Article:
Government Reactions to Tragedy: How Maltreatment Deaths Impact Child Protection

(Job Market Paper)

Governments often change policy or practice following a tragedy. In theory, governments should use information from tragedies to optimally update. In practice, their reactions may not be well-calibrated and may depend on whether the tragedy is spotlighted in the media. This paper examines how child protection agencies react to maltreatment deaths and assesses the consequences for welfare. I first analyze newspaper archives to construct a dataset of publicized maltreatment deaths between 1999 and 2019. I then employ a staggered adoption event study to identify the impact of a death on child protection systems and child outcomes. Agencies react sharply to highly-publicized deaths, increasing removals by 19 percent. There is no detectable reaction to less-publicized deaths, suggesting agencies respond primarily to scrutiny rather than information. Highly-publicized deaths induce an increase in removals among children with the highest predicted risk of maltreatment and hospitalizations for maltreatment-related diagnoses among Medicaid recipients decline. But Black children’s removal rates rise more than White children’s even conditional on risk, increasing the Black-White removal rate gap. Agency reactions to tragedies therefore do not appear to be optimal, though parts of their reactions may be welfare-enhancing.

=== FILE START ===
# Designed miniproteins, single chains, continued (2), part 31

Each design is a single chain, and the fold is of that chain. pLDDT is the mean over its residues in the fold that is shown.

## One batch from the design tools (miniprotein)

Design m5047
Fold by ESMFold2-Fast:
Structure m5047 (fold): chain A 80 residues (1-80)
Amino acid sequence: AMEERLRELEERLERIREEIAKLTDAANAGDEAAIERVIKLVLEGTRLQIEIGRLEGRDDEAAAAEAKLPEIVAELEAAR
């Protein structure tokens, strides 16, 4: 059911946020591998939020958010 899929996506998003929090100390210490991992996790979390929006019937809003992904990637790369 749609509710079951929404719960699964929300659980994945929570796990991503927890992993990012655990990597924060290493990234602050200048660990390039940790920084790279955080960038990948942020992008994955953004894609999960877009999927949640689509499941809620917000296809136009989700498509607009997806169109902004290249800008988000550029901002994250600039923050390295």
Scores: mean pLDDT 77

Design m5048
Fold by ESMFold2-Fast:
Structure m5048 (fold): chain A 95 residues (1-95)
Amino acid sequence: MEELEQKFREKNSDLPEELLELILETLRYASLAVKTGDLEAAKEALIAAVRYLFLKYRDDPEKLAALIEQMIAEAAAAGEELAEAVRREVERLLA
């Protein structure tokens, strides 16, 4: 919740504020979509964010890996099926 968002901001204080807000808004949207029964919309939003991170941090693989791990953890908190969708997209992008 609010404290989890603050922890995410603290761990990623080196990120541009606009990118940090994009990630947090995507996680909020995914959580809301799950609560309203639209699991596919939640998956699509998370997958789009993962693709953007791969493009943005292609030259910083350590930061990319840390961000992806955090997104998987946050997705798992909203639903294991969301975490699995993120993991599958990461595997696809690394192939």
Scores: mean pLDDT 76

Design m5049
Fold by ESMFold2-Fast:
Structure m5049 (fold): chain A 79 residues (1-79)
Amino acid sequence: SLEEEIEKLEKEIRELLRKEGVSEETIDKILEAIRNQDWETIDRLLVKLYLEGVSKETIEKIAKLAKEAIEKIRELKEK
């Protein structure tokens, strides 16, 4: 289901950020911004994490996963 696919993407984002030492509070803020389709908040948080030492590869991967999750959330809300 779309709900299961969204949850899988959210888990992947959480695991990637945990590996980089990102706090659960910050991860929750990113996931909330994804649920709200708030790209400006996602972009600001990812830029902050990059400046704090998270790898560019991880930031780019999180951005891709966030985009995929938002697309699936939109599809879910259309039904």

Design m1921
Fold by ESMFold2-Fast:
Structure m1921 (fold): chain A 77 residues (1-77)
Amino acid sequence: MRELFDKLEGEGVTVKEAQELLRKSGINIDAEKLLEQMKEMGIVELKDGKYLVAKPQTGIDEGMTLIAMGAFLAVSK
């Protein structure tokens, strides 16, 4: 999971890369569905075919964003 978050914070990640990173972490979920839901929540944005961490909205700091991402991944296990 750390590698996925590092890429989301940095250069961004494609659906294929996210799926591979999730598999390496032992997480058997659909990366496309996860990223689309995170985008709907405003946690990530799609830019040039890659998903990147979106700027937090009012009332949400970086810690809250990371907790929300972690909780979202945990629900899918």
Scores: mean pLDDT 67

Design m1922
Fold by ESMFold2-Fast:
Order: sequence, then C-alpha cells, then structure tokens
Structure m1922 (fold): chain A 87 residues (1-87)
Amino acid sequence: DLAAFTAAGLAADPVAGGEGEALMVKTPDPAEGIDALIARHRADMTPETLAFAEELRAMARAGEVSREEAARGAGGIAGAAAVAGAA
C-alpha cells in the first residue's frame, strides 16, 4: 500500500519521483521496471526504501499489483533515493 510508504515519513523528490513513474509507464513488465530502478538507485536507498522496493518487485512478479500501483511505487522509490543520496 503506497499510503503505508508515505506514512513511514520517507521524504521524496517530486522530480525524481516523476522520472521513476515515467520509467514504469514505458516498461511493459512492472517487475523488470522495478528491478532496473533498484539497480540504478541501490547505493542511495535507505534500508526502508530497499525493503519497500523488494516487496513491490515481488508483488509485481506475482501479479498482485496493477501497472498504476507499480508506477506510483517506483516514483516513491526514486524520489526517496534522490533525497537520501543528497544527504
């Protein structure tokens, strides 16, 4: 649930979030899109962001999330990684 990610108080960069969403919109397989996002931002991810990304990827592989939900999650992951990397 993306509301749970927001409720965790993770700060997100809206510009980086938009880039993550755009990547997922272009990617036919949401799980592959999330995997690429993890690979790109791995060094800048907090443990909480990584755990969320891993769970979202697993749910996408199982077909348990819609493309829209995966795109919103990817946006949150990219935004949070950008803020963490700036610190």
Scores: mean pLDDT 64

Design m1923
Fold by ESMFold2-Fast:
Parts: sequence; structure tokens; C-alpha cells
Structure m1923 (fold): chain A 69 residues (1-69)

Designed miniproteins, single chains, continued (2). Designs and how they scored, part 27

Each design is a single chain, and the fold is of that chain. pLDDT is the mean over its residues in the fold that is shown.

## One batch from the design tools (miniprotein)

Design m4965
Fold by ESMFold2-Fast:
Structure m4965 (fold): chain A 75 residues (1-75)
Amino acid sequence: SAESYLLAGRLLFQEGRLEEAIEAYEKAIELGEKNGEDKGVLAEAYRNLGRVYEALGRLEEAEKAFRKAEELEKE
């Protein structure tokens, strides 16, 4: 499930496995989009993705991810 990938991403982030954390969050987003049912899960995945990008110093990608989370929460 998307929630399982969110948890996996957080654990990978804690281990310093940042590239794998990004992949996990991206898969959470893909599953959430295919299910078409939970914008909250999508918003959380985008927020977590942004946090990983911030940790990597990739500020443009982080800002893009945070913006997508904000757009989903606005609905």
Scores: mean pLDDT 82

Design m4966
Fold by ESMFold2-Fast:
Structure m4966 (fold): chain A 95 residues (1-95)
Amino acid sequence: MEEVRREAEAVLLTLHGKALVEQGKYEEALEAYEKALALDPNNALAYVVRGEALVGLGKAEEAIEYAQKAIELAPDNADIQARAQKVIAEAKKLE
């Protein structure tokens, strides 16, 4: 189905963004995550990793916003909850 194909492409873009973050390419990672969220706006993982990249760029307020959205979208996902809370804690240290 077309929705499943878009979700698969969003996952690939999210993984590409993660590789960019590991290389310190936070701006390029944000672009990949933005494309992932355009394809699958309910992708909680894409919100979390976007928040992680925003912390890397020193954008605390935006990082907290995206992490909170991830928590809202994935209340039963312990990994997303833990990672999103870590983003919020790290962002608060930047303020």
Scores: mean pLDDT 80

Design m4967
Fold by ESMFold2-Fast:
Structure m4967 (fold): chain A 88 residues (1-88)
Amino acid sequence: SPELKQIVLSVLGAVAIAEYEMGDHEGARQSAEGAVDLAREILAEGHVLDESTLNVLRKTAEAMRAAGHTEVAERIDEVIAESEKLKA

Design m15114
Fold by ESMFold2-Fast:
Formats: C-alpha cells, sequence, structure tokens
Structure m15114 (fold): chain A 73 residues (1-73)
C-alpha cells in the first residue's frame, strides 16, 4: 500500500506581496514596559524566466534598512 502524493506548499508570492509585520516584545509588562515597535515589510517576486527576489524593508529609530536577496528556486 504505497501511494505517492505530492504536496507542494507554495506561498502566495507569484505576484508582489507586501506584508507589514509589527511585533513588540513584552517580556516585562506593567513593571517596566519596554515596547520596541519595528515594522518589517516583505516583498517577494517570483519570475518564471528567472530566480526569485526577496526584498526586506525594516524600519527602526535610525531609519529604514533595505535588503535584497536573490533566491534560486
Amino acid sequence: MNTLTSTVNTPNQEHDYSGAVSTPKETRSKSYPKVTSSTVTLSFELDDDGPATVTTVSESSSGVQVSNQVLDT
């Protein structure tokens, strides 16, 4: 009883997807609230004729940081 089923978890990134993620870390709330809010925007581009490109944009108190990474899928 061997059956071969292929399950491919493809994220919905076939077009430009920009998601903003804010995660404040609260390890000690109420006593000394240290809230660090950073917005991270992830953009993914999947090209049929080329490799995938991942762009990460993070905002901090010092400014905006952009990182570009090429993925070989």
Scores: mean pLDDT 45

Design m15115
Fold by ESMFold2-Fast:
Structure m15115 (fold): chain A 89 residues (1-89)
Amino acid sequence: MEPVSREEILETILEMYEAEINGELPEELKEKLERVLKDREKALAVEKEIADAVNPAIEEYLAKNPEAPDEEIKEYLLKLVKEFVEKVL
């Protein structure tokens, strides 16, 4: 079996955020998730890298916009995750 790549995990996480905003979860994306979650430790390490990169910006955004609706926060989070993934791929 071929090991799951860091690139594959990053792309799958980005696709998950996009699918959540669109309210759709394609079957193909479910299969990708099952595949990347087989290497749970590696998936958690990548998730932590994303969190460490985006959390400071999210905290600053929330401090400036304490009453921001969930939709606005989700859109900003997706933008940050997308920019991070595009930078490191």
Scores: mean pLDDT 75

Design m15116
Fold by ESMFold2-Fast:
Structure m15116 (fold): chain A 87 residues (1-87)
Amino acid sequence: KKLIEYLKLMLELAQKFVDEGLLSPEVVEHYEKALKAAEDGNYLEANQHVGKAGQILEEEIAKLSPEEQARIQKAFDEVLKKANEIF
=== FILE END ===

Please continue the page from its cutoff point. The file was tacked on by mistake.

The Impact of Public Health Insurance on Child Health and Parental Labor Supply: Evidence from Arizona’s CHIP Freeze

I examine the impact of a temporary freeze in the Children’s Health Insurance Program (CHIP) on parental labor supply and children’s health outcomes. In 2010, Arizona was the only state to freeze its CHIP program. Following the freeze, families earning between 140 and 200% of the federal poverty level could no longer enroll children in public health insurance, but children already enrolled could maintain their coverage. This policy created a sharp decrease in public benefits available to families with newborns. I use triple difference and regression discontinuity designs to examine the impact on parental labor supply and child health. The freeze reduced parental earnings: the portion of families earning between 140 and 200% of the federal poverty level declined by 7 percentage points, and the portion earning between 0 and 50 increased by the same amount.

Stigma and Social Safety Net Participation

(with Kelsey Pukelis and Michael Holcomb)

Stigma may prevent participation in social safety net programs and impose utility costs on individuals already receiving benefits. We use a nationally representative to assess the prevalence of stigma and its role as a barrier to take-up in the Supplemental Nutritional Assistance Program (SNAP) and the potential for interventions to alleviate stigma and increase take-up. The survey measures respondents’ beliefs about the observability of participation, barriers and benefits associated with participation, and attitudes towards individuals who participate in SNAP. An experimental component tests the impact of three interventions on stigmatizing beliefs and interest in SNAP participation.

Evaluating the Role of Stigma as a Barrier to Take-up of Government Programs

(with Jessica Lasky-Fink, Elizabeth Linos and Heidi Wallace)